The wifi is very good and readily available in most places. We also suggest buying a local phone plan with data that will ensure you can stay connected to the internet even if there are disruptions to the wifi network. Or if you’ve discovered a secluded spot, then the pre-paid SIM cards are ideal to hot spot yourself from. An unlocked monthly SIM card with 3GB of data costs around $US9 and this can easily be recharged. Keeping a portable battery pack is another good way to save yourself from panic if there is a power outage. Make sure it always stays charged, you never know when you will need to use it!

It’s easy to forget to take breaks when you’re very focused on your work. Set an alarm and make sure you stretch out your body and avoid looking at a screen for a few minutes every hour. Many chairs in Hoi An have a stiff wooden back so if you’re planning on staying for a while it won’t hurt to bring a small pillow with you to keep your back cushioned. 

If you’re not already on it, check out Coworker.com – it’s THE PLACE to search for workplaces around the area.

Best Places to Work in Hoi An

If you want to be in a quiet, professional space surrounded by other local and international nomads then one of the co-working spaces in Hoi An would be the ideal place for you. 

Hub Hoi An Coworking

The most popular co-working space in Hoi An is this one – it’s home to digital nomads, remote freelancers, entrepreneurs, and innovative creatives who make up a diverse community of coworkers. 

Price: A 1-day pass is $US9, 1 week costs $US57 and there are also longer-term and flexible options available 

Internet Speed: Download 63.3 Mbps Upload 64.6 Mbps

Address: 105 Lê Thánh Tông, Cẩm Sơn

Vietnam Sustainable Space

This is an ethical workspace that gives digital nomads flexibility to come and go whenever it suits them. They make all their products using recycled materials and in terms of price – this is the cheapest workplace you will find.

Price: Instead of charging a day rate, all you need to do is purchase a drink.

Address: 8/1 Nguyễn Thị Minh Khai

Coffee Shops

There’s no better feeling than finishing some work while sipping on a cup of coffee, and Hoi An has a great coffee culture to enjoy. 

Rosie’s Cafe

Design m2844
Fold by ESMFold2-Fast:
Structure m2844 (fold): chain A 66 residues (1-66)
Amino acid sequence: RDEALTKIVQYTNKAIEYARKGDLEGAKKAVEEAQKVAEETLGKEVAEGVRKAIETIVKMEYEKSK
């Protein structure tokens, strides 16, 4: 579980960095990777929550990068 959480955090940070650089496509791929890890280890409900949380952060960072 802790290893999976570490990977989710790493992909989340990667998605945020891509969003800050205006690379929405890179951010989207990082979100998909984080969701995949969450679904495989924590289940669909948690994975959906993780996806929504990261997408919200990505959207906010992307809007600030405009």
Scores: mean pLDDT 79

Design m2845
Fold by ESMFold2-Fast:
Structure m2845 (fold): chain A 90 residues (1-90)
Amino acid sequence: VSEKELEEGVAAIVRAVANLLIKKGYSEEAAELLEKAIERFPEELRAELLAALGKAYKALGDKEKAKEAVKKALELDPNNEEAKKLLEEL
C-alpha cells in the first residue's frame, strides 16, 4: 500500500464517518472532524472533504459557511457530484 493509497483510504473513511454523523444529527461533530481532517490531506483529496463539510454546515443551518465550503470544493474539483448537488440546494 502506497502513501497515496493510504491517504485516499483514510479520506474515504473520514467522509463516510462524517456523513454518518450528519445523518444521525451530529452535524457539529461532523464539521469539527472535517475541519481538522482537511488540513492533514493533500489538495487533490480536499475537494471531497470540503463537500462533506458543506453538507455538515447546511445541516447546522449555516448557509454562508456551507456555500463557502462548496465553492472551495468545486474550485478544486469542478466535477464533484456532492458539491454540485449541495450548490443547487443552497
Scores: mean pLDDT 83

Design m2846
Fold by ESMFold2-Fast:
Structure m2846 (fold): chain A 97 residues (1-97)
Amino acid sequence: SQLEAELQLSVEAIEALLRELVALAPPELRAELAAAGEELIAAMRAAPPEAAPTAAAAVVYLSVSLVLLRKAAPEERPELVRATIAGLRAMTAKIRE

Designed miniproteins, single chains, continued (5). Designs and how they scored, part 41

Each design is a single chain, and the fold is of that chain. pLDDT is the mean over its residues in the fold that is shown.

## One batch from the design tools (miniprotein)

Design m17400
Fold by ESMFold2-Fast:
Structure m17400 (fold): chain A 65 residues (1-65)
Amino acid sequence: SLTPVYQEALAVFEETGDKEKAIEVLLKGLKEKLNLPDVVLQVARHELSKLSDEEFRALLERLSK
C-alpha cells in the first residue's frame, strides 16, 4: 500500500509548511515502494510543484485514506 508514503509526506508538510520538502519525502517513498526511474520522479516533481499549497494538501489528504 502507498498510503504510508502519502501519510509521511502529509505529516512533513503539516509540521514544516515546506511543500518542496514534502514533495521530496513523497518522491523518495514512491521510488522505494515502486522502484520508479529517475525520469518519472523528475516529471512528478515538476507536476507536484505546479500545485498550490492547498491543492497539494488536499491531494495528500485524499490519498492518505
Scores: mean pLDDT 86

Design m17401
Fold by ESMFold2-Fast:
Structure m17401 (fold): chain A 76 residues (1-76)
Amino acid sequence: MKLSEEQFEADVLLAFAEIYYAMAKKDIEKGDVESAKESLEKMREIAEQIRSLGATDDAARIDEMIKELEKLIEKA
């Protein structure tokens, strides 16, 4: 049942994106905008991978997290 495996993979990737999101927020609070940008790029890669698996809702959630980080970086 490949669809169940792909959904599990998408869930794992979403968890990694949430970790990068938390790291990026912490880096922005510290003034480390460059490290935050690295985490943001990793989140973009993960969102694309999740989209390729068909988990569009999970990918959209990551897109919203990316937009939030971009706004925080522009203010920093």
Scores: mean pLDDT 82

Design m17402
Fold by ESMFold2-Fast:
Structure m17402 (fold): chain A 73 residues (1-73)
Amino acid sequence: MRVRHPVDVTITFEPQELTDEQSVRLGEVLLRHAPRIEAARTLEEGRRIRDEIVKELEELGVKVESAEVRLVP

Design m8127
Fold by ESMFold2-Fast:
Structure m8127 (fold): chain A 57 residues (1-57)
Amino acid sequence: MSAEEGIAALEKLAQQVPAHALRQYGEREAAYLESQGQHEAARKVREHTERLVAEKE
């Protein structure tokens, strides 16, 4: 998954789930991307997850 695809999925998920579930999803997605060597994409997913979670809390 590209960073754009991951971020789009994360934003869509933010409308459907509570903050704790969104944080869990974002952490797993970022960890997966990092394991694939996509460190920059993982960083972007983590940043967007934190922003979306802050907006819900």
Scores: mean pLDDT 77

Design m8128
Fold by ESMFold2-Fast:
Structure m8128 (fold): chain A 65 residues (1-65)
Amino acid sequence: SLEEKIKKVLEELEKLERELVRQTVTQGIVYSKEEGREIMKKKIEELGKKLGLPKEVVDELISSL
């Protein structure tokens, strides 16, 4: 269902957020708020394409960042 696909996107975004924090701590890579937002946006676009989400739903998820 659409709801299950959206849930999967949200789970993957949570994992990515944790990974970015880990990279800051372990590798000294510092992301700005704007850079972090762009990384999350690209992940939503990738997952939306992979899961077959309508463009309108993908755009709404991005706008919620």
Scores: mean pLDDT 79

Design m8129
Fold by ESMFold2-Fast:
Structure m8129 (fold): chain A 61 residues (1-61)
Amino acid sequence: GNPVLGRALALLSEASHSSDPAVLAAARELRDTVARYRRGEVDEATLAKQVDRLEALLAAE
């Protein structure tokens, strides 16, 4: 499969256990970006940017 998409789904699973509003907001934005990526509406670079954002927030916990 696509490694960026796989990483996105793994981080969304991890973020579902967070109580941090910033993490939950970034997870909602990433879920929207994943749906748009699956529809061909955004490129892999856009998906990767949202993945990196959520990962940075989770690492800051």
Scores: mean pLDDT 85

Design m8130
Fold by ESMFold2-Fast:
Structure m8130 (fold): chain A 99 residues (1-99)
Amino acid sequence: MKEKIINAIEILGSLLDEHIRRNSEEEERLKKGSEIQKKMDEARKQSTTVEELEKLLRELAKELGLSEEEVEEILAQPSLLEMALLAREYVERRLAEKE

This cafe has the best breakfast menu with acai bowls, smoothies, and fresh juices. You must come here at least once. The long benches at the back of this cafe are popular with many freelancers. Keep in mind there is no aircon here so sit near a fan to avoid getting too hot. 

Prices: You can have an amazing breakfast for under $US5 at Rosie’s. 

Address: 8/6 Nguyễn Thị Minh Khai 

Dingo Deli

This is one of the few co-working spaces with aircon. It’s not cheap (by Vietnamese standards) but the cheese boards, sandwiches, dip platters, and french toast are worth it! Freelancers like this cafe to work and socialize at so it’s also a good place to meet new people.  

Price: Expect to pay at least $US7 for a meal.

Address: 277 Cua Dai Road

Nourish Eatery

A hidden gem of Hoi An, this cafe is a peaceful and calm café with a great space on the second floor for work. The food is delicious and healthy.  

Prices: Slightly above average price point that caters to western customers.

Address: 220a Nguyễn Duy Hiệu, Cẩm Châu

Avos and Mangos

As the name suggests, the menu has a range of avocado and mango-inspired dishes. The cafe is delightful with a nicely decorated interior, good internet connection, and chill music. 

Price: A coffee will set you back around $US1.2 and a smoothie $US2.5.

Address: 409 Cửa Đại, Cẩm Châu, Hội An, Quảng Nam, Vietnam

Good Eats Hoi An

If you’re after tasty brunch items and a relaxing environment, this is your place. The only downside is that they close at 4 pm, so if you want to work later into the afternoon, you will need to find another place. 

Price: A coffee costs around $US1.75 and pastries start around $1. 

Address: 409 Cửa Đại, Cẩm Châu

Best Places to Live in Hoi An

Best Neighbourhoods

Hoi An is a small town but the type of lifestyle does vary from place to place. If you are planning on spending most of your free time splashing in the water, then consider living in an area closer to the beach. If nature is your kryptonite and you seek calm then take a look at Cam Thanh. Party lovers plant yourselves in An Hoi and night owls we suggest living centrally in Old Town.

Read on to work out which area is best for you!

Old Town

If it’s your first time in Hoi An and you would like to stay in an area with lots of hustle and bustle then the Ancient Town is the place for you. The historic center of the town and where most of the cultural activities happen, it has plenty of character and you will enjoy getting lost between windy alleyways, colorful buildings, and traditional shops.

Cam Pho

Looking for a trendy area that’s a bit friendlier on the wallet? Cam Pho is the place to be! Located just to the north and west of Ancient Town, Cam Pho is within walking distance to all the main attractions in town and it’s easy to get to the countryside from here.